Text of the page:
Sunday, January 15, 2012

Marc Faber Picks at 2012 Barron's Roundtable

The first month of the year is time for Barron's roudtable. There were 10 panelists for 2012:

  • Scoot Black - Delphi Management
  • Fred Hickey - The High Street Strategist
  • Abby Joseph Cohen - Global Markets Institutes
  • Brian Rogers - T. Rowe Price
  • Marc Faber - The Gloom, Doom & Boom Report
  • Meryl Witmer - Eagle Capital Partners
  • Mario Gabelli - Gamco Investors Inc.
  • Oscar Schafer - O.S.S. Capital Management
  • Bill Gross - Pimco
  • Felix Zulauf - Zulauf Asset Management
They discussed their views on the economy and markets and gave their picks for 2012.

Here are Marc Faber's Picks for 2012:

Investment/Ticker Price 1/6/12
Big-Cap Stocks
Total / TOT$50.75
Nestlé / NESN.Switzerland54.00 CHF
Novartis / NVS$57.31
Pfizer / PFE21.57
SATS / SATS.SingaporeS$2.23
K-REIT Asia Management / KREIT.Singapore0.89
StarHub / STH.Singapore2.9
Wing Tai Holdings / WINGT.Singapore0.99
Fraser & Neave / FNN.Singapore6.35
Hong Kong
Sun Hung Kai Properties / 16.Hong KongHK$98.20
Swire Pacific / 19.Hong Kong75.45
Hang Seng Bank / 11.Hong Kong92.9
India Capital Fund*$66.24
International Business Machines / IBM$182.54 / CRM101.06
Australian dollar A$1=$1.02
*Price of A shares as of 9/30/2011.
Source: Bloomberg

Here's the part of Barron's Roundtable where he explains his long picks:

Faber: My preference is asset diversification, as we don't know how much money governments will print, the size of fiscal deficits and so forth. The biggest uncertainty is what will happen to the Chinese economy. The Chinese probably can continue to muddle through, easing interest rates again to keep things up. But we're dealing with an economy driven by capital spending, which is driven by credit, which wasn't the case until 2008.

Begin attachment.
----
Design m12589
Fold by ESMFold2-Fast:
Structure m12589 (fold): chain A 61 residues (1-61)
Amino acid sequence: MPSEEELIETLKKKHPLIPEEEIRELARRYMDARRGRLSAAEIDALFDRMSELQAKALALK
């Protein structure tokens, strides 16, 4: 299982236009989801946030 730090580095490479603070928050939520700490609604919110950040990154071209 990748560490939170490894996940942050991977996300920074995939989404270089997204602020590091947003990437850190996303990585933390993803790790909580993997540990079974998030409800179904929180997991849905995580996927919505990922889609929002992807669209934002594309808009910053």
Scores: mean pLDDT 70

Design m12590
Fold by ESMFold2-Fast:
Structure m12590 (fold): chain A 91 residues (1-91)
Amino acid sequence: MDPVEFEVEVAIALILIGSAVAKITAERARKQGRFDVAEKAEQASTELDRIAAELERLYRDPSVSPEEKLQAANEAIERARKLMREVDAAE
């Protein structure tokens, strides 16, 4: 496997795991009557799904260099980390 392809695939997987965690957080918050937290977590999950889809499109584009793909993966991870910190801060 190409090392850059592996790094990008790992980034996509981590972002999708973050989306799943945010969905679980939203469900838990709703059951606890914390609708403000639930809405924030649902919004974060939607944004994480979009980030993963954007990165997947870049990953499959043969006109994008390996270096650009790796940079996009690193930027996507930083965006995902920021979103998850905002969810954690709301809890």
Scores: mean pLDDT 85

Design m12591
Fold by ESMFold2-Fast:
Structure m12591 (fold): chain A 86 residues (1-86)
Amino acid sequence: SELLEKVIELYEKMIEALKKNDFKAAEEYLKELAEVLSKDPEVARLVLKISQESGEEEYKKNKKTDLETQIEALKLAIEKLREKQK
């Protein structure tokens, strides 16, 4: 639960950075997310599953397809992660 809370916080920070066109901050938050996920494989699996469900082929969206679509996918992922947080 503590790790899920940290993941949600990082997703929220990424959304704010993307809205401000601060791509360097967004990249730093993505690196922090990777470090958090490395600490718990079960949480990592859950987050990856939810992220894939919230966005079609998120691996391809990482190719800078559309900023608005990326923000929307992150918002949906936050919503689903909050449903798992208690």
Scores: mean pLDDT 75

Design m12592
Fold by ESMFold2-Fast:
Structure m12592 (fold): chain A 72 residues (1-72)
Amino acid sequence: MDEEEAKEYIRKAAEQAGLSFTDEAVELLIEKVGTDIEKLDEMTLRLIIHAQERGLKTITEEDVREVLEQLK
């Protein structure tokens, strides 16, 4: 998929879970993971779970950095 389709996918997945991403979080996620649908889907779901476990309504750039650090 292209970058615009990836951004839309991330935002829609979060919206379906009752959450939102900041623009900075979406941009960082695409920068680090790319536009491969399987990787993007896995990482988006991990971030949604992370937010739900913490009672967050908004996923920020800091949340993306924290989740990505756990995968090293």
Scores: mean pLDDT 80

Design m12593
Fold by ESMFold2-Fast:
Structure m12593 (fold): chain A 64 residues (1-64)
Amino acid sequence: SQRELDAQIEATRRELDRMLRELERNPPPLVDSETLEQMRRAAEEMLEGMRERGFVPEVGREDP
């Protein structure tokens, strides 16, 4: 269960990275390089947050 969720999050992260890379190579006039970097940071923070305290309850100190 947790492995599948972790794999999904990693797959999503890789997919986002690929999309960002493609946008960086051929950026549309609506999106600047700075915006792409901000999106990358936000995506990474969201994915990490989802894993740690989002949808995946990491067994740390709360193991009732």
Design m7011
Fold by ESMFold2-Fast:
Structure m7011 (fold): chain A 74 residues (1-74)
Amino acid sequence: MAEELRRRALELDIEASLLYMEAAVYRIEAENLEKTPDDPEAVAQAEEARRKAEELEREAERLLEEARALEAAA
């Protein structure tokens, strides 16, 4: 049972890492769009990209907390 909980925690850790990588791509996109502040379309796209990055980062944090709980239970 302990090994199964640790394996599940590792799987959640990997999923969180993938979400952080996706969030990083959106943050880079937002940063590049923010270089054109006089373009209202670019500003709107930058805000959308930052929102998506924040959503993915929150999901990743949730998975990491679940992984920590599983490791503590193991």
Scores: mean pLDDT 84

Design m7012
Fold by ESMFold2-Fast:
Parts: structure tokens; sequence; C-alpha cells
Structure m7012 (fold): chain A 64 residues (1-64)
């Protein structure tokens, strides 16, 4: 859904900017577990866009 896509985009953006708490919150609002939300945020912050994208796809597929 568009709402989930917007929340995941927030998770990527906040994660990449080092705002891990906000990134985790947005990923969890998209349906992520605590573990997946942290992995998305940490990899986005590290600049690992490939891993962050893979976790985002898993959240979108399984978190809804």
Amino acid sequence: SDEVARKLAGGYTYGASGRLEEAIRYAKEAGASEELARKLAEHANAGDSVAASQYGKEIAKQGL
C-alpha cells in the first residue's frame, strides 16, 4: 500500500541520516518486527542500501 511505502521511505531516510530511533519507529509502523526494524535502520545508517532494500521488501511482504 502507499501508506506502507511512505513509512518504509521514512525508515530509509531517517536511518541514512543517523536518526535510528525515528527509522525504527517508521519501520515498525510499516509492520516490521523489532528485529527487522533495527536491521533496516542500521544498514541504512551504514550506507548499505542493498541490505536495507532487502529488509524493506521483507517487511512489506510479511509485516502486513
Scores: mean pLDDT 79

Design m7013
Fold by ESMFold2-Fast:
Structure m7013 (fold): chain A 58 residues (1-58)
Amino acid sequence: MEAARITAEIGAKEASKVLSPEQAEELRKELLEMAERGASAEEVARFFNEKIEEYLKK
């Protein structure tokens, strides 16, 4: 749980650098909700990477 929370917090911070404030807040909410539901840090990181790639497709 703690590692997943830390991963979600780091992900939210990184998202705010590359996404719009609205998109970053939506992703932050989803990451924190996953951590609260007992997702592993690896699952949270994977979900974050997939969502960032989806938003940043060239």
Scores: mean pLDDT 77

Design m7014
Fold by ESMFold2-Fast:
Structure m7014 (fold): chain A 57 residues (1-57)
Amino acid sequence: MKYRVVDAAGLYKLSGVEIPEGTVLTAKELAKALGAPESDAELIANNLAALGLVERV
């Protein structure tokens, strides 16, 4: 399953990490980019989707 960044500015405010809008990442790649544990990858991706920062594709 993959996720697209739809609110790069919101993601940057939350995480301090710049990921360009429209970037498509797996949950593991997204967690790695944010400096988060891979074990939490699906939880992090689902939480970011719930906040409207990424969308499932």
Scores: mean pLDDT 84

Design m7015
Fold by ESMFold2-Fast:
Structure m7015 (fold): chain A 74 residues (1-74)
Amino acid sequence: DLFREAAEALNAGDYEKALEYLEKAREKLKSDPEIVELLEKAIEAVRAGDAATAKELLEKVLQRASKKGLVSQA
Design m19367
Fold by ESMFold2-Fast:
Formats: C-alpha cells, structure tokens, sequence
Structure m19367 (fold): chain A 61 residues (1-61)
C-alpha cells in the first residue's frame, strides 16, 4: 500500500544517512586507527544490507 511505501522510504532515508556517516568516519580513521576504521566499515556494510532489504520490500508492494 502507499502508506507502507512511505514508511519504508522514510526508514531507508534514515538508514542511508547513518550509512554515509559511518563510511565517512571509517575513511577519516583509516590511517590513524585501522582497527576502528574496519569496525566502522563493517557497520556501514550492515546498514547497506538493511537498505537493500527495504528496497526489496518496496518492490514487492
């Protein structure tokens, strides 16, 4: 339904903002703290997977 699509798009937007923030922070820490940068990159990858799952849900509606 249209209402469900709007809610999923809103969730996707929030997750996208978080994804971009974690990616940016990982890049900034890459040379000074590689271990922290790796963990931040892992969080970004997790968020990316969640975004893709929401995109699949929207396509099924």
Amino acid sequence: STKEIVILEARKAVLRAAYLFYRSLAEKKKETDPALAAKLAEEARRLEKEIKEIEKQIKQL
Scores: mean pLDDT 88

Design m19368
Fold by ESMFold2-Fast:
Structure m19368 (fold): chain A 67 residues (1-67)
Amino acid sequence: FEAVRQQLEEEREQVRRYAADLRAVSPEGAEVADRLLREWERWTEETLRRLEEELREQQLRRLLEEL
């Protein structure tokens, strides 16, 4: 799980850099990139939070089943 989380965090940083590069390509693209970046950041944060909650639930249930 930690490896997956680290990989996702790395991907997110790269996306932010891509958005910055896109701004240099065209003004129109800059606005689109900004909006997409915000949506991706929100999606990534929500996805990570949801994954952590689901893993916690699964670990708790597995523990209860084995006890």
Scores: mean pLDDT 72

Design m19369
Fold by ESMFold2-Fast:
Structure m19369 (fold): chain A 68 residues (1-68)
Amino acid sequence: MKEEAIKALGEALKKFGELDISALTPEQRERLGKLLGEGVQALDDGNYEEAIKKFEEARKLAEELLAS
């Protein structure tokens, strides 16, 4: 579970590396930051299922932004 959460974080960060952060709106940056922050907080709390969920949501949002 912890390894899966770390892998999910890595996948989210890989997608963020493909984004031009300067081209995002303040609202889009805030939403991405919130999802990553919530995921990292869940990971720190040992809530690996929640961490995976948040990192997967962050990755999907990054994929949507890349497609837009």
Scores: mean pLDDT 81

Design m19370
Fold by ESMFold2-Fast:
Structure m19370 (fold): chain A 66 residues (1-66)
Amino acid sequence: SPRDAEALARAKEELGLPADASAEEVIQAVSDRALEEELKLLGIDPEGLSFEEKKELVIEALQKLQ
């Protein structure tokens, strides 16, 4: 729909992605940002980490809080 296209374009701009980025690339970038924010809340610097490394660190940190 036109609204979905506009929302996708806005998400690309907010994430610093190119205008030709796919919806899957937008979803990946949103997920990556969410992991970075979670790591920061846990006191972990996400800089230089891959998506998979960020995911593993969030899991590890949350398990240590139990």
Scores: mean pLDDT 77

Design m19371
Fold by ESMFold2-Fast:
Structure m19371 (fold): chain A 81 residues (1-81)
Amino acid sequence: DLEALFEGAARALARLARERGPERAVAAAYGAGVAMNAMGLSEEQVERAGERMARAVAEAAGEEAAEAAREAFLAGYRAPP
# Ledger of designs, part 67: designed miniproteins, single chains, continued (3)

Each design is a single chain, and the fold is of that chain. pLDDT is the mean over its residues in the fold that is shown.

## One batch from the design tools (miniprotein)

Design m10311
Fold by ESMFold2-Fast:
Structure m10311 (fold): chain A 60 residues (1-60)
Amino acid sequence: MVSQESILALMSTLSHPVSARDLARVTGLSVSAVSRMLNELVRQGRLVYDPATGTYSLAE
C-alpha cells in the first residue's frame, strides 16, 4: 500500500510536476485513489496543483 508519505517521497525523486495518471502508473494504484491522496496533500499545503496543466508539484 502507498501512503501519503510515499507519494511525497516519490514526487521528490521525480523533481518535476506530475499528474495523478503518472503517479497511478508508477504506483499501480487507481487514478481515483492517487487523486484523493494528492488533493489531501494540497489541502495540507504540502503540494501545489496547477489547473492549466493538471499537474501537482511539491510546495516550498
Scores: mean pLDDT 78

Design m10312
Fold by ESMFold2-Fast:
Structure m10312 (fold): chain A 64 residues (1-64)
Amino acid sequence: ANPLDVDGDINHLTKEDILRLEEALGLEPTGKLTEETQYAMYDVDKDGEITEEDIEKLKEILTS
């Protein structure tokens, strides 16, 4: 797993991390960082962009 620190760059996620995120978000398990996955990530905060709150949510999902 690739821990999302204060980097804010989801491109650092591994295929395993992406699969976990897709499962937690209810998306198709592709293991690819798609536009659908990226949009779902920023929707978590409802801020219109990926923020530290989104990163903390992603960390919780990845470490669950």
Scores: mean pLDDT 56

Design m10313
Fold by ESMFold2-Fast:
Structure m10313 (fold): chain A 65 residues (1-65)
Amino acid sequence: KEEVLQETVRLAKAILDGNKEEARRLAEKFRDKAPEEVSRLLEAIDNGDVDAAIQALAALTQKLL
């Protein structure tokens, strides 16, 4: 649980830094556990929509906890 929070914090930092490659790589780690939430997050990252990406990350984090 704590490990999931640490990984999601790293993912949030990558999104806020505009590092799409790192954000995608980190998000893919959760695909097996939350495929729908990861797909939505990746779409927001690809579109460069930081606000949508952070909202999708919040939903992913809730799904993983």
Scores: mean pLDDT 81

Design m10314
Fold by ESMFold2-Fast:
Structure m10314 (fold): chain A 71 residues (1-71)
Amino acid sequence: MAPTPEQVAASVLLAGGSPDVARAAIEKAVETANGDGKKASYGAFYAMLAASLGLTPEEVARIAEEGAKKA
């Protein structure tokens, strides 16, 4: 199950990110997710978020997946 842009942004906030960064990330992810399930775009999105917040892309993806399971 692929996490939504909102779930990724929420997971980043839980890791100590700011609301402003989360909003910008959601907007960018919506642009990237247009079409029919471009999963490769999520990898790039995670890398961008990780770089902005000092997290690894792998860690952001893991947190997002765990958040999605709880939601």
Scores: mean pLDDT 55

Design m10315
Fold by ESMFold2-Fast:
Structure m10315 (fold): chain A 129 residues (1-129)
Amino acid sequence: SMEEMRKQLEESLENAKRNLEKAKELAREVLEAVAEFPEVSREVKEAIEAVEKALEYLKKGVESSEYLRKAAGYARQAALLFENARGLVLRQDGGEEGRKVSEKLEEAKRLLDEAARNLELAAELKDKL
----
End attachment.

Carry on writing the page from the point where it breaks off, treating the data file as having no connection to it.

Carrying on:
Faber: There is a huge amount of underground lending throughout Asia. Mr. Bernanke can drop his dollar bills on the U.S., but the growth in dollars here can lead to strong economic growth and inflation in other countries. That has happened in the past few years. I am the most bearish person you can imagine on earth, which is why I recommend putting, say, 25% of your money in equities, 25% in precious metals, 25% in cash and bonds and 25% in real estate. These assets won't go up substantially this year, but they could preserve your wealth.

People say large-capitalization stocks are inexpensive, and I agree. I would buy a basket of high-quality big-caps in Europe and the U.S. You can by Total [TOT], in France, which yields more than 5%, and Nestlé [NESN.Switzerland] and Novartis [NVS] and Pfizer [PFE]. These stocks don't have huge downside risk. Because emerging markets saw big declines last year, you could also buy SATS [SATS.Singapore], in Singapore, which provides catering services to the airline industry and ports. It yields 5% and trades for 13 times earnings. I also like K-REIT Asia Management [KREIT.Singapore], a real-estate investment trust that yields 7%. The stock has fallen by about 50% and the dividend might be cut. But even if it is cut to 4%, this is an OK investment. These stocks won't go up right away, but reinvesting dividends will yield an adequate return over time. StarHub [STH.Singapore], the mobile-phone company, yields 6.9% and the P/E is 14.

Zulauf: If China decelerates sharply, won't markets like Singapore have another big hit?